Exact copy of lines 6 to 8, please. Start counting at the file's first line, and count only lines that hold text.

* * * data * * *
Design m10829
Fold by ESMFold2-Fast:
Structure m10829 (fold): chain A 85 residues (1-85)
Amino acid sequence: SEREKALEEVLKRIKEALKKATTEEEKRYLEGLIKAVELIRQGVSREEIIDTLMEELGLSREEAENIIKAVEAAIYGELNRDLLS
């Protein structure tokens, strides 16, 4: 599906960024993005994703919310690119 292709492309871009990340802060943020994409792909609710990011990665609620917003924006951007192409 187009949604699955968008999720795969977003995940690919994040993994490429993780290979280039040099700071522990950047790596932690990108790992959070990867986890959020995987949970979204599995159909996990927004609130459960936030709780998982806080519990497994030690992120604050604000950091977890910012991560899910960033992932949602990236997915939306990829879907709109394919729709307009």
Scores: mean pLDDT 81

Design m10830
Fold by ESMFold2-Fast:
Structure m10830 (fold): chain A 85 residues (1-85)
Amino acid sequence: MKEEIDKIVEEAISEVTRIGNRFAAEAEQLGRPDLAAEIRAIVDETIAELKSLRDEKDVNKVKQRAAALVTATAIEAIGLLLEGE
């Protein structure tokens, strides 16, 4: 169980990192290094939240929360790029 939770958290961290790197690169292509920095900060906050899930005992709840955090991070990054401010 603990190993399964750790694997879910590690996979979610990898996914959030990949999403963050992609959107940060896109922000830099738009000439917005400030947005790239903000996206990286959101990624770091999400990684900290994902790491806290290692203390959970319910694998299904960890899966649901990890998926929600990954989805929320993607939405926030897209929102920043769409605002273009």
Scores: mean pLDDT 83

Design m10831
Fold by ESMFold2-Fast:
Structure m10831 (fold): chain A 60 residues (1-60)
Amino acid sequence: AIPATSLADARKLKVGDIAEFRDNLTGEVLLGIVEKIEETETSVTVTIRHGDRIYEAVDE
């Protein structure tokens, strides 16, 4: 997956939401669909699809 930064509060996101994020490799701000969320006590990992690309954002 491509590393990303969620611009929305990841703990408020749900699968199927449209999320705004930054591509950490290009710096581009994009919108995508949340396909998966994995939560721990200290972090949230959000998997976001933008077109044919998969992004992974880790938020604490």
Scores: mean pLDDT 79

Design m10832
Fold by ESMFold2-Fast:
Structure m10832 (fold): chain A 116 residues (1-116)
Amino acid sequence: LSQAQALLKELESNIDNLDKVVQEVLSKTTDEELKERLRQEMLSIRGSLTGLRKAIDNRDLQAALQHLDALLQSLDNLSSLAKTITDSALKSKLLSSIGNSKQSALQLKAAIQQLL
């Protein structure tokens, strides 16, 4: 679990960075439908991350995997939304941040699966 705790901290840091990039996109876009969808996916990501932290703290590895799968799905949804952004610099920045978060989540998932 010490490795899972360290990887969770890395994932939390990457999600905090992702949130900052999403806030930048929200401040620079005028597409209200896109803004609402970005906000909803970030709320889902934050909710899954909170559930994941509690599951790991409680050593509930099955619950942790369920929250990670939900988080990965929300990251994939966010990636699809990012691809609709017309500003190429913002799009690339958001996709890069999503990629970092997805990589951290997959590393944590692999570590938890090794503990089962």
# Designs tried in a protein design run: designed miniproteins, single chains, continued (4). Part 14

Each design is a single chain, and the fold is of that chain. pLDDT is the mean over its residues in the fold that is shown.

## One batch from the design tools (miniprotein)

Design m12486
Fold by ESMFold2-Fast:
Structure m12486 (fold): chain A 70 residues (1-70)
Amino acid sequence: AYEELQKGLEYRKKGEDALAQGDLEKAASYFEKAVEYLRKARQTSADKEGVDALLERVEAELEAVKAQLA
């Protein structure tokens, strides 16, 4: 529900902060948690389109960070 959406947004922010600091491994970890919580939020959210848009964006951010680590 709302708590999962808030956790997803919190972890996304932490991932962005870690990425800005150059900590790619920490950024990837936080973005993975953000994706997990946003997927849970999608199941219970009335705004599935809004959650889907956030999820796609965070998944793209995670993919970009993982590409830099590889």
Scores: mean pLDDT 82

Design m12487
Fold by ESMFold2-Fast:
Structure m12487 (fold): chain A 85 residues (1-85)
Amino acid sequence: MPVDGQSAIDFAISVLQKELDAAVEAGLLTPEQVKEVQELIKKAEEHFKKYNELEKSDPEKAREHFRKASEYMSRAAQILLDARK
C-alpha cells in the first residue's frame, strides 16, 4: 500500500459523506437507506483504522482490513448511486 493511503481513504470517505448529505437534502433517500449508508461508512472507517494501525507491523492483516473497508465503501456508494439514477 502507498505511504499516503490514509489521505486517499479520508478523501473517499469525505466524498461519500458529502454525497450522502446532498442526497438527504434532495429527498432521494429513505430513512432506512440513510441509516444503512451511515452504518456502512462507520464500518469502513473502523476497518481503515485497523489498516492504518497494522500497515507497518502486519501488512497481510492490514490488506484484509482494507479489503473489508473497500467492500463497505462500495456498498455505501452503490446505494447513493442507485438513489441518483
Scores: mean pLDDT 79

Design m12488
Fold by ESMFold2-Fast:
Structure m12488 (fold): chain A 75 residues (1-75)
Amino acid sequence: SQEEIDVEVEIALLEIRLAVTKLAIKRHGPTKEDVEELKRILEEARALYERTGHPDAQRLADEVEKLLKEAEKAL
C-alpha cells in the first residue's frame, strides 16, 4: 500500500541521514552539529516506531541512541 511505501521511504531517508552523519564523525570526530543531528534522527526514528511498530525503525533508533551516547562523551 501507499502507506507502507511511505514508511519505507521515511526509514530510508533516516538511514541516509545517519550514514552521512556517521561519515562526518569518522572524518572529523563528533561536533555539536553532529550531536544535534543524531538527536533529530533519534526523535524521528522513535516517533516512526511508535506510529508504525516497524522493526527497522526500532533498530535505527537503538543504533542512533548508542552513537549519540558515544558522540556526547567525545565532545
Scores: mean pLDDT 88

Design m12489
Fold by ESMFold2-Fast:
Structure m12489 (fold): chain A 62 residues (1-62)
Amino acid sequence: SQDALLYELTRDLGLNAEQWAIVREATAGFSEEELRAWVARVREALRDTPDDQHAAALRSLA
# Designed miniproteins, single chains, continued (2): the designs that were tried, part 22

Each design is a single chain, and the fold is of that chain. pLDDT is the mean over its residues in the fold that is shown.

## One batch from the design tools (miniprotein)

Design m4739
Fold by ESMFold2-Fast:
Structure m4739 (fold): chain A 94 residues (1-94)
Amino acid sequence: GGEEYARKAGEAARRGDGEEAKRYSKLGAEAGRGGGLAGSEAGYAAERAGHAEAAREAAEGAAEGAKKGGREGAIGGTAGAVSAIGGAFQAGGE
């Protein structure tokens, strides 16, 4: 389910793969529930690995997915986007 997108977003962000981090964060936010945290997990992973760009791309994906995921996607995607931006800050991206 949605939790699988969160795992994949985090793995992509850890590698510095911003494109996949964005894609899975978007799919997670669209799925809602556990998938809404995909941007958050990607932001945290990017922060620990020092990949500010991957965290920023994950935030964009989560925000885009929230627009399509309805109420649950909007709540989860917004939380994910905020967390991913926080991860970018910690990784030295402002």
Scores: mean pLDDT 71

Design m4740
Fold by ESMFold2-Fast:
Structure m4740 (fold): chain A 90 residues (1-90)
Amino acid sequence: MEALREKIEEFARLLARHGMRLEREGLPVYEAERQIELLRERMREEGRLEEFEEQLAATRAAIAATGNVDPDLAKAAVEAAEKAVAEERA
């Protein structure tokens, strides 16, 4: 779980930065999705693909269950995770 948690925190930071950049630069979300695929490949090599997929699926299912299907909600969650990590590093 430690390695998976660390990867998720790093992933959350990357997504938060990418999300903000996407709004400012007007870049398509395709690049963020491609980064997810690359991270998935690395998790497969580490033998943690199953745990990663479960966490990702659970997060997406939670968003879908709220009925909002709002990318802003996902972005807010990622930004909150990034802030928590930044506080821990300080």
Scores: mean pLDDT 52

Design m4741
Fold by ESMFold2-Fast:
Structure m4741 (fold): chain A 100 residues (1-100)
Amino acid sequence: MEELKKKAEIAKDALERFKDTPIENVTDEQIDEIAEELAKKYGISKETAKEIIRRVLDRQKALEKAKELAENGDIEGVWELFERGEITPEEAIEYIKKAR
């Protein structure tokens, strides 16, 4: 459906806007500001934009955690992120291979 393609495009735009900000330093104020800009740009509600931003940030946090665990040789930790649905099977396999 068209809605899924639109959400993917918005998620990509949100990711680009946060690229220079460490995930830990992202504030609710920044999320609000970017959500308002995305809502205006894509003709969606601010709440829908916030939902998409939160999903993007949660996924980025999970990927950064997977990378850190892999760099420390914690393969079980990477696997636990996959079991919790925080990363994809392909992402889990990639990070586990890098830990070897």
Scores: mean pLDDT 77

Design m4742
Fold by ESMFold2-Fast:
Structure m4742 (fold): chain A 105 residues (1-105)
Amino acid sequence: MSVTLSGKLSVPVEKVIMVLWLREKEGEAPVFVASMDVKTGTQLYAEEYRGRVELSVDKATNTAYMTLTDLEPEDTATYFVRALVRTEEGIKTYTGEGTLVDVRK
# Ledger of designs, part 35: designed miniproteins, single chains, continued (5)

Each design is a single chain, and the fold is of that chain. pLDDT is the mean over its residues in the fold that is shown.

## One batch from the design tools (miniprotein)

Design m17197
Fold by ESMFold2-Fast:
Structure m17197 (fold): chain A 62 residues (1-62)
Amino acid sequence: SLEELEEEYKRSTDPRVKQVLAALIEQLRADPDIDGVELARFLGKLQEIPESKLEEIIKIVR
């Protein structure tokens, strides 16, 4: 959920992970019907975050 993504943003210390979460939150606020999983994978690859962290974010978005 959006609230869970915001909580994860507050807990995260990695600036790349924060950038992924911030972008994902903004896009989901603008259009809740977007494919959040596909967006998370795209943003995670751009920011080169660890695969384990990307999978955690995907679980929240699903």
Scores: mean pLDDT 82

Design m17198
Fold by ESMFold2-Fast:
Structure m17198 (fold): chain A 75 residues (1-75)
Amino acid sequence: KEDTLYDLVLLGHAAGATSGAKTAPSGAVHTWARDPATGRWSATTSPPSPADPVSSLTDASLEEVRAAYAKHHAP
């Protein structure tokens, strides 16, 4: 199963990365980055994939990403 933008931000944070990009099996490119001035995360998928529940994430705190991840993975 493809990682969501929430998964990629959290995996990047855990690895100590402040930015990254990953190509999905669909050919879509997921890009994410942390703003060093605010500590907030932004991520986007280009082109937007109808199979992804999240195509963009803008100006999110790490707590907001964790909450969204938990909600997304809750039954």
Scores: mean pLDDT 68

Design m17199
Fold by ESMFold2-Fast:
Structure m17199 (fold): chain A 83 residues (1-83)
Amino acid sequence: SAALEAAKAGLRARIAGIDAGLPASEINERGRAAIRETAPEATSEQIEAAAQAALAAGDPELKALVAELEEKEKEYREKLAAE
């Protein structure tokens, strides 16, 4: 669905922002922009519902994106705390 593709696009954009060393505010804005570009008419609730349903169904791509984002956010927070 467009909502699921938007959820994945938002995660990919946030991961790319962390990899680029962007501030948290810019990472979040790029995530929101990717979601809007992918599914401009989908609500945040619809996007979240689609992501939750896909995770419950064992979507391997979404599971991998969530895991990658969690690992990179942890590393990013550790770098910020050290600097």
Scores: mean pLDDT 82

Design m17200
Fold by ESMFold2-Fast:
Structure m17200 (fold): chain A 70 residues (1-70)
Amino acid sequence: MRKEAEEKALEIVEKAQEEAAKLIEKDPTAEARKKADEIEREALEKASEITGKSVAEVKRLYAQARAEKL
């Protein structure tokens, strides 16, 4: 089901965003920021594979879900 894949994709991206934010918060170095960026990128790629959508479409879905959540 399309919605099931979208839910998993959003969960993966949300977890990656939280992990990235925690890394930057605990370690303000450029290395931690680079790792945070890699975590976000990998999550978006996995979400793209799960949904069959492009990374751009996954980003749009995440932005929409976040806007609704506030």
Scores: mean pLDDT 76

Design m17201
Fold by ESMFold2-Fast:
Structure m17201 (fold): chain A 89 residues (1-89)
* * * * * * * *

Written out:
Scores: mean pLDDT 81

Design m10830
Fold by ESMFold2-Fast: